CSI & Sustainability Trends

Marketing & Media trends

Retail trends

More Articles

Subscribe to industry newsletters

#BizTrends2019: Making businesses work when virgin materials are scarce and expensive

Businesses need to adapt and evolve to keep up with the rapidly changing markets in which they operate. Resource scarcities and the rising cost of raw materials are just some factors driving the pressure to adapt. These factors are pushing businesses to become more resource efficient through optimisation techniques that ensure that the maximum value is extracted out of a resource with minimum negative impact on the environment.
Emmanuel Kasese, programme manager of the Western Cape Industrial Symbiosis Programme (WISP) at GreenCape
The linear production model where raw materials are converted into products which are replaced by newer products and disposed of after use, is becoming unsustainable. The world is realising that natural resources are finite and running out, or becoming economically unfeasible to extract. Businesses are also reporting that virgin raw materials are becoming more expensive or that they are driven to find solutions because of government regulations that restrict the use and disposal of certain materials.

Anticipating and planning for scarcities


GreenCape provides free support to business to ensure sustainable and resource efficient growth. We’re seeing that businesses and sectors that are able to anticipate and plan for scarcities and uncertainty by constantly innovating have a better chance of thriving. What has worked in the past will not work tomorrow; a fact demonstrated by the recent drought in Cape Town, which forced businesses to reassess how they use and manage their water resources.

There is a lot of work going into finding more circular approaches to production, which allow the reintegration of used materials back into the economy through recovery, recycling and reuse. The Western Cape Industrial Symbiosis Programme (WISP) is one such example. Circular economy activities like WISP, which is funded by the City of Cape Town, have a wider economic impact as they can spawn new industries like the recycling industry. This in turn boosts the economy and jobs are created which can increase the participation rate of the poor and previously disenfranchised.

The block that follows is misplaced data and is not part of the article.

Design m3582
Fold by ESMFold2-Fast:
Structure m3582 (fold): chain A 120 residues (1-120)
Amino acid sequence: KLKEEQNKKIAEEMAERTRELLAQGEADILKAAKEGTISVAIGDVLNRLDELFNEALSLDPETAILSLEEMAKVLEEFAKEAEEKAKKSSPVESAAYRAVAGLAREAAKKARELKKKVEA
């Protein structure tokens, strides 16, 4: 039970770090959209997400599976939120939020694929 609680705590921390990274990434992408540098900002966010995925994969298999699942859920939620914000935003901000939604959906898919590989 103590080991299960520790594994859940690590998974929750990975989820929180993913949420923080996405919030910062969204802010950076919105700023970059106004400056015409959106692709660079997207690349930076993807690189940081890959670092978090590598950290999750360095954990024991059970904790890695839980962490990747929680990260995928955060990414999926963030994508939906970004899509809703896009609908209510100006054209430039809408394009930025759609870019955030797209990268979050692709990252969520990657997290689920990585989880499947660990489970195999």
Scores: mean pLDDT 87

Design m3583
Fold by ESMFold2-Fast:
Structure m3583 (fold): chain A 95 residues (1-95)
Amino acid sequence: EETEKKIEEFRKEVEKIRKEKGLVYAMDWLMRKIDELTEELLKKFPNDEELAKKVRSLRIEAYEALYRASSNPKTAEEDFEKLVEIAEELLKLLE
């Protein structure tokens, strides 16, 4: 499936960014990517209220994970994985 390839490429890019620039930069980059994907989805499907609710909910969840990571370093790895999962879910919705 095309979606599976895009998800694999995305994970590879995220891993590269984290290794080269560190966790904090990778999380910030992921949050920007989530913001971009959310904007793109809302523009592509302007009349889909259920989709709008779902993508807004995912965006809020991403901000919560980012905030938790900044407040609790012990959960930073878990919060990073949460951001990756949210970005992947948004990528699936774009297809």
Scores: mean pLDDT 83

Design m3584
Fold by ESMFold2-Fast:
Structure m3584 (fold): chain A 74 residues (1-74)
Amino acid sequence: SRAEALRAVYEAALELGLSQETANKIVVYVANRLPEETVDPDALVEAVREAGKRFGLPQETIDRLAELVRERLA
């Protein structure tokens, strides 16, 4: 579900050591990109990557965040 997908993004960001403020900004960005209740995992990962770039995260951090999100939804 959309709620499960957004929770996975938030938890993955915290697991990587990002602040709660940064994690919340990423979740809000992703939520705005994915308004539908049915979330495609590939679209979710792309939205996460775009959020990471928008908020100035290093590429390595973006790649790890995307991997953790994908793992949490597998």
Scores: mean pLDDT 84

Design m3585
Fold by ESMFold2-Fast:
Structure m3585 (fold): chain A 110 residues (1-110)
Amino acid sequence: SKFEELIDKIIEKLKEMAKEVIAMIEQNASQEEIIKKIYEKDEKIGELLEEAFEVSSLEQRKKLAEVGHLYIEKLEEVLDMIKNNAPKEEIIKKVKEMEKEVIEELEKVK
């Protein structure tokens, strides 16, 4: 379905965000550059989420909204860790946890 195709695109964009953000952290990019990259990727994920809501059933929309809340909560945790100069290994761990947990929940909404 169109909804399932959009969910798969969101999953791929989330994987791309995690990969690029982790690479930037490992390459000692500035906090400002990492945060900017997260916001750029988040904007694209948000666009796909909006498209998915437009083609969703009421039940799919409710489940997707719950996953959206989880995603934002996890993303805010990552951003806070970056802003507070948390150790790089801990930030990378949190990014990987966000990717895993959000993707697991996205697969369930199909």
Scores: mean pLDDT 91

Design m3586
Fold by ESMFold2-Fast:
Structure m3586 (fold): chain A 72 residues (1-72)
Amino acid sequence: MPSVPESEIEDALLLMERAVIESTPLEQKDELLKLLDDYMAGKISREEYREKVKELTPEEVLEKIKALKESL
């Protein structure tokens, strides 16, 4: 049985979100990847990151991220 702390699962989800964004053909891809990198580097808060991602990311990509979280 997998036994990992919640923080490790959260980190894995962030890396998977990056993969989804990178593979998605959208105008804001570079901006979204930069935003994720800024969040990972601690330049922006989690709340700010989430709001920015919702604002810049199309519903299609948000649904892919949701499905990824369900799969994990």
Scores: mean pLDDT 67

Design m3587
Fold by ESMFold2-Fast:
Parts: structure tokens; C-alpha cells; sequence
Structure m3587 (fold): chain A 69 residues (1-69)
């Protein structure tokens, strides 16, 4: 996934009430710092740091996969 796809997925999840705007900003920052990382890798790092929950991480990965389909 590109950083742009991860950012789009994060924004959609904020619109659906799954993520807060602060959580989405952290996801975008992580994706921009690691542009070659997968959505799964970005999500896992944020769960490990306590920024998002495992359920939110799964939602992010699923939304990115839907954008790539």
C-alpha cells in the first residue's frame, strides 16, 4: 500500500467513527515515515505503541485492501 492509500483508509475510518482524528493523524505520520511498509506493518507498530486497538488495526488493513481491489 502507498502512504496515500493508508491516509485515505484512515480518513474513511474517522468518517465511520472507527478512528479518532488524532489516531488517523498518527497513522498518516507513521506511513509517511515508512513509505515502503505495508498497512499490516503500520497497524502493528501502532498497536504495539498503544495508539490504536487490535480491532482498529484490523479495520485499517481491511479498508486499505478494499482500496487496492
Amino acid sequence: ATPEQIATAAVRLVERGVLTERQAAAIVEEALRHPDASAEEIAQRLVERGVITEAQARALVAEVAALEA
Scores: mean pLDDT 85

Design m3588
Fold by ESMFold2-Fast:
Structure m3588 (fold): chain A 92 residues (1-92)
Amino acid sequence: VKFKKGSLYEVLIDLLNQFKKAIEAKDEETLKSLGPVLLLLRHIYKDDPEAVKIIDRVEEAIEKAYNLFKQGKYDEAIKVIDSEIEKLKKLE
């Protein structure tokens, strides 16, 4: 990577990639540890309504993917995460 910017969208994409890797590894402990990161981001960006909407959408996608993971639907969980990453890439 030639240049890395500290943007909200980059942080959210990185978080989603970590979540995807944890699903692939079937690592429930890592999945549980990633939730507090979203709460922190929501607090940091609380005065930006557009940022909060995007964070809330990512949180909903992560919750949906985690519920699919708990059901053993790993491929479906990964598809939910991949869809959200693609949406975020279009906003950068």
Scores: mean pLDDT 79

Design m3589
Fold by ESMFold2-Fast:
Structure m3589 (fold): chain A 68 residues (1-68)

Waste as a resource


WISP and other cleaner production programmes treat one business’s waste as a resource that can be used by another business. Through these programmes, which are often free and funded by government, businesses with a ‘waste’ are matched with ones that can use that 'waste', resulting in a range of benefits for both businesses, from the creation of new income streams, landfill cost savings, to greenhouse gas reductions and better green credentials.

Through WISP's business matching work, more than 33,000 tonnes of material destined for landfill has been diverted back into the economy for reuse since 2013. This means a reduction in demand for virgin materials of the same amount. Businesses that have joined to be matched with other businesses have collectively saved roughly R24m in avoided landfill and costs. New businesses that have been created through matches include solvent recyclers, pallet refurbishers, builders’ rubble processing, textiles recycling, and waste to energy activities.

Breaking with convention has historically allowed us to innovate and advance as a society. With scarcer and more expensive resources, the businesses that use new tools and sustainable materials are the ones that will thrive into the future. The great news is that in South Africa, circular economy programmes like WISP and other provincial industrial symbiosis programmes provide free support to help businesses do just that.
Get a daily news update via WhatsApp or sign up to our newsletters.

About Emmanuel Kasese

Emmanuel Kasese is the programme manager of the Western Cape Industrial Symbiosis Programme (WISP) at GreenCape. He has masters and undergraduate degrees in chemical engineering from Wits University. Since joining GreenCape in 2014, Emmanuel has been focusing on helping the chemicals and allied industries become more resource efficient, through energy and water efficiency opportunities, and through finding alternatives to waste disposal for problematic waste streams.
Comment

Related